gritting up the tires for ice traction?- Mtbr.com
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  1. #1
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    gritting up the tires for ice traction?

    I have a winter race I do every year, the Triple-D.

    This year, its starting to look like the course conditions are going to be icy.

    How stupid of an idea is it to try to apply some kind of adhesive to my tires and then roll it through sand to get grit all over the tire that might stick for 65 miles and allow me to finish this race entirely in an upright position?

    Has anyone every tried anything like this?

    Keep the sandy side down?
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  2. #2
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    You need studded tires. Don't think gluing sand to your tread is going to cut it or be very effective.
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  3. #3
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    It might work for a couple miles, but I wouldn't trust it. Especially if you take corners at anything more than a crawl. Studded is the way to go.

    I'd grab an old pair of 26" tires and put some stainless steel cap screws in it and cover the backs with gorilla tape. Lot of forum posts about using screws on ice. I've done it, and it works for ice and dirt. Not much fun on road though. At higher tire pressures (over 35psi) on asphalt, the screws make the steering feel weird.
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  4. #4
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    I have a set of Freddie's Revenz, but its the kind of course where fat tires would be advantageous just about anywhere that's not icy.
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  5. #5
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    There was a cat in Anchorage that was adding an abrasive to Vee rubber fatbike tires last winter and selling them on CL. I have not seen him selling this year. Not sure it he was using a spray adhesive or melting the rubber and rolling the tire through the grit. He also said he would treat your own tires if you brought them in. I have not heard any feedback on this method of ice traction.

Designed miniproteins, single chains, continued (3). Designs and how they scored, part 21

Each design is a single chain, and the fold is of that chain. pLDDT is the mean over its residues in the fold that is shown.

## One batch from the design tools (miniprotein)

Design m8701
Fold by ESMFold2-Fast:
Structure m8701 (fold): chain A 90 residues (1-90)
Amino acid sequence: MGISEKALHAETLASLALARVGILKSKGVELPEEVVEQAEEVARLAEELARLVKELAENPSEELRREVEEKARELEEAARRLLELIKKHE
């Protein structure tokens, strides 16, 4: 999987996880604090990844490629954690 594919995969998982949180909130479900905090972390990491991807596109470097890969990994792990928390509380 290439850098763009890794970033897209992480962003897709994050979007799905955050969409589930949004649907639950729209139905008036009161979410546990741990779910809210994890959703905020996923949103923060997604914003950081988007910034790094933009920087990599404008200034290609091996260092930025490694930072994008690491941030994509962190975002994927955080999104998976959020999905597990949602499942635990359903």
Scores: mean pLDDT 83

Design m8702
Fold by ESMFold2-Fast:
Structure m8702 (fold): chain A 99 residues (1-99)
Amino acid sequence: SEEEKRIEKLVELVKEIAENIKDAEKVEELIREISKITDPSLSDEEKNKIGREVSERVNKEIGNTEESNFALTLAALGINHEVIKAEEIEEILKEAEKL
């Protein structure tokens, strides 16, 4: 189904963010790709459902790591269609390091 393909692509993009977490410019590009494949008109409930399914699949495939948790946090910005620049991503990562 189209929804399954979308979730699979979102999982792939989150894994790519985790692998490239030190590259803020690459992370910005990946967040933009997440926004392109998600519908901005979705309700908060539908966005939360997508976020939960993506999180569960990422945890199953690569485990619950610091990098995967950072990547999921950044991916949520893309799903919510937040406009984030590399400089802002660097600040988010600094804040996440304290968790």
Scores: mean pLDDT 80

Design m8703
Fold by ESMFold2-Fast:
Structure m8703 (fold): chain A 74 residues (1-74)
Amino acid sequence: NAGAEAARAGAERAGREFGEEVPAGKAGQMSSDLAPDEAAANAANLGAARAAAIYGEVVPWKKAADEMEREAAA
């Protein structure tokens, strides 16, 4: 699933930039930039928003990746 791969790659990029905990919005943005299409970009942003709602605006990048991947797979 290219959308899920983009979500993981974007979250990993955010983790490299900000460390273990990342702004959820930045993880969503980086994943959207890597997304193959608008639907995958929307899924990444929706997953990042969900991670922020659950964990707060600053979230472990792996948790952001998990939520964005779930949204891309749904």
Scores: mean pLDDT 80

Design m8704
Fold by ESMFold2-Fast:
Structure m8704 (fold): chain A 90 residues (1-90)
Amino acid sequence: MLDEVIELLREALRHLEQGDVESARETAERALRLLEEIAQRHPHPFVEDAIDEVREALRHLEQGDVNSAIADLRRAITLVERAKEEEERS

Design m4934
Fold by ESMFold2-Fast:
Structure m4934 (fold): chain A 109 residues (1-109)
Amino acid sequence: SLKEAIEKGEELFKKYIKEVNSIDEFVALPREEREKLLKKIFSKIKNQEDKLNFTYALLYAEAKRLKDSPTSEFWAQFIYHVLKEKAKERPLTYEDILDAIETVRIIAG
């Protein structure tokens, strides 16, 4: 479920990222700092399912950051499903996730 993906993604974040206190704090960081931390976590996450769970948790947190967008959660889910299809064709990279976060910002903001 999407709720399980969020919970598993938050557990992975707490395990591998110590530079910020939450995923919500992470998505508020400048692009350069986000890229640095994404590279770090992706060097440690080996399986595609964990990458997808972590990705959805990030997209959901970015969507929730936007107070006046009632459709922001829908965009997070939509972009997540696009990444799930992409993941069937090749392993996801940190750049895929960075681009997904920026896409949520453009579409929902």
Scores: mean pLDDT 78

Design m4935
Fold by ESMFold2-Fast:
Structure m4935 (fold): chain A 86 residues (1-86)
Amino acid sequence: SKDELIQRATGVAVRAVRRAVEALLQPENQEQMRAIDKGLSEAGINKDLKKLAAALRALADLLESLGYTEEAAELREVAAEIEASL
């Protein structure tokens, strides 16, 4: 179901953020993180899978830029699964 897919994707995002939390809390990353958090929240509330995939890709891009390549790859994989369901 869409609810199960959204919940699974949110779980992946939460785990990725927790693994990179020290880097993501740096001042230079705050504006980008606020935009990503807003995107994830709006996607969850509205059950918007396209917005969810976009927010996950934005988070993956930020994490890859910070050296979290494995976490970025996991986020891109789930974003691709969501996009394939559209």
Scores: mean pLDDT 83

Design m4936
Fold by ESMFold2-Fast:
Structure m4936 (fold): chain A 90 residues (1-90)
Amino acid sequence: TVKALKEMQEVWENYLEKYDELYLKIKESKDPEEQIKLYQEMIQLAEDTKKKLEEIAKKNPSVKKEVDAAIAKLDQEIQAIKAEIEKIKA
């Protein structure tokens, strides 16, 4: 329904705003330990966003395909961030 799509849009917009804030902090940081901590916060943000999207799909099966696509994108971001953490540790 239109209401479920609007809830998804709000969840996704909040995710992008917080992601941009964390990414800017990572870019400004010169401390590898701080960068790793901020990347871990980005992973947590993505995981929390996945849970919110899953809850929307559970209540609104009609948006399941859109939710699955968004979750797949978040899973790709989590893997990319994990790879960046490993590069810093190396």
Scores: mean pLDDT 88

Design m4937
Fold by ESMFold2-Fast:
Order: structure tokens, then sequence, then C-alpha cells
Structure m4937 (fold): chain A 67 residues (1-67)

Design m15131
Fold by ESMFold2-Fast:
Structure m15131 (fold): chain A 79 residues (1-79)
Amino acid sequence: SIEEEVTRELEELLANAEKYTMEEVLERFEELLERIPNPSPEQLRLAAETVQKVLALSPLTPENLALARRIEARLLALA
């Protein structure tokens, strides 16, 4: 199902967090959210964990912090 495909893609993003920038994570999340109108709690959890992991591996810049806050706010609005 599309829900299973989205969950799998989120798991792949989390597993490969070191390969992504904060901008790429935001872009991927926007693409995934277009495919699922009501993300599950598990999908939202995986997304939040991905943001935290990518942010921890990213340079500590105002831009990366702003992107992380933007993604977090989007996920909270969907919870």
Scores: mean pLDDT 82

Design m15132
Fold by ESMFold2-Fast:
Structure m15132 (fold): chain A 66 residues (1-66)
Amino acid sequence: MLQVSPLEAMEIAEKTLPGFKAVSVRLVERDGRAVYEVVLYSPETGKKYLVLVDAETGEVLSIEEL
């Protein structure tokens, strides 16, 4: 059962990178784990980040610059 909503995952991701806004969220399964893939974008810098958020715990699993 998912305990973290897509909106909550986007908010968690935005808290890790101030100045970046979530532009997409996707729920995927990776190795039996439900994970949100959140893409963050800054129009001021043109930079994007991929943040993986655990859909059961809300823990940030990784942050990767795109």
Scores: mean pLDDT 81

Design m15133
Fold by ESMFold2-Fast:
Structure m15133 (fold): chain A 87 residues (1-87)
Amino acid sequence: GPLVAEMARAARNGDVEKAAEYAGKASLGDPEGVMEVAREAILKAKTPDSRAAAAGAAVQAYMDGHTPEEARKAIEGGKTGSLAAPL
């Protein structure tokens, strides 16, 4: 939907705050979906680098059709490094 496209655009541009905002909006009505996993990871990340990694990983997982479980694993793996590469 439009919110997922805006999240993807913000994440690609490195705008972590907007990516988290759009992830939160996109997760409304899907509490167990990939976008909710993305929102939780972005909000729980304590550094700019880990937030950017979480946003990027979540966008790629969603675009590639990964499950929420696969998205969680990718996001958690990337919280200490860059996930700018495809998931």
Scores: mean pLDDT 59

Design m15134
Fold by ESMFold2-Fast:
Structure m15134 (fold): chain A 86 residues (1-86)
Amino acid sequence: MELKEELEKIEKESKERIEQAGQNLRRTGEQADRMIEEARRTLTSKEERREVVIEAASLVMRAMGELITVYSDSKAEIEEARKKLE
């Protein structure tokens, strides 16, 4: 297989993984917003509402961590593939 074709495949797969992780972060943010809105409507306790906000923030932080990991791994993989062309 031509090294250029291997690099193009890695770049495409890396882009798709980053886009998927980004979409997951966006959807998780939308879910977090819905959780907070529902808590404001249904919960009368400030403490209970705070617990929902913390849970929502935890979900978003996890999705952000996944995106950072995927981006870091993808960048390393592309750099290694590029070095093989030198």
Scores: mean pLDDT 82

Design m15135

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  6. #6
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    Quote Originally Posted by FishMan473 View Post
    I have a set of Freddie's Revenz, but its the kind of course where fat tires would be advantageous just about anywhere that's not icy.
    Pretty much everyone here in Alaska races with studded tires.
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  7. #7
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    Quote Originally Posted by FishMan473 View Post
    I have a winter race I do every year, the Triple-D.

    This year, its starting to look like the course conditions are going to be icy.

    How stupid of an idea is it to try to apply some kind of adhesive to my tires and then roll it through sand to get grit all over the tire that might stick for 65 miles and allow me to finish this race entirely in an upright position?

    Has anyone every tried anything like this?

    Keep the sandy side down?

    Try it and let us know. Love the idea. Cheap and potentially faster if you can stay upright.

  8. #8
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    I posted on a different thread. A pop rivet head (remove the nail) through the tire from the inside then screw a metal screw from the outside in the pop rivet. Drill the tire so the pop rivet fit tight. Just fing a screw/pop rivet combo that screw in together. I bet 1 or 2 bottle sealer would work to seal the tire too...

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  9. #9
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    Interesting idea.

    IF you could make it work without a huge preformance penalty, would be pretty cool..

  10. #10
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    No help here...but I'd love to hear how it works out!

  11. #11
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    Does anyone have any inkling of what type of adhesive would allow the sand to stay stuck to the tire, but not cause permanent damage to the rubber?


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  12. #12
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    Totally talking out my arse here so take it worth a grain of sand (tehehe)...

    I am presuming that you would be riding these in cold conditions - hence the ice. I am assuming in the 20ish range.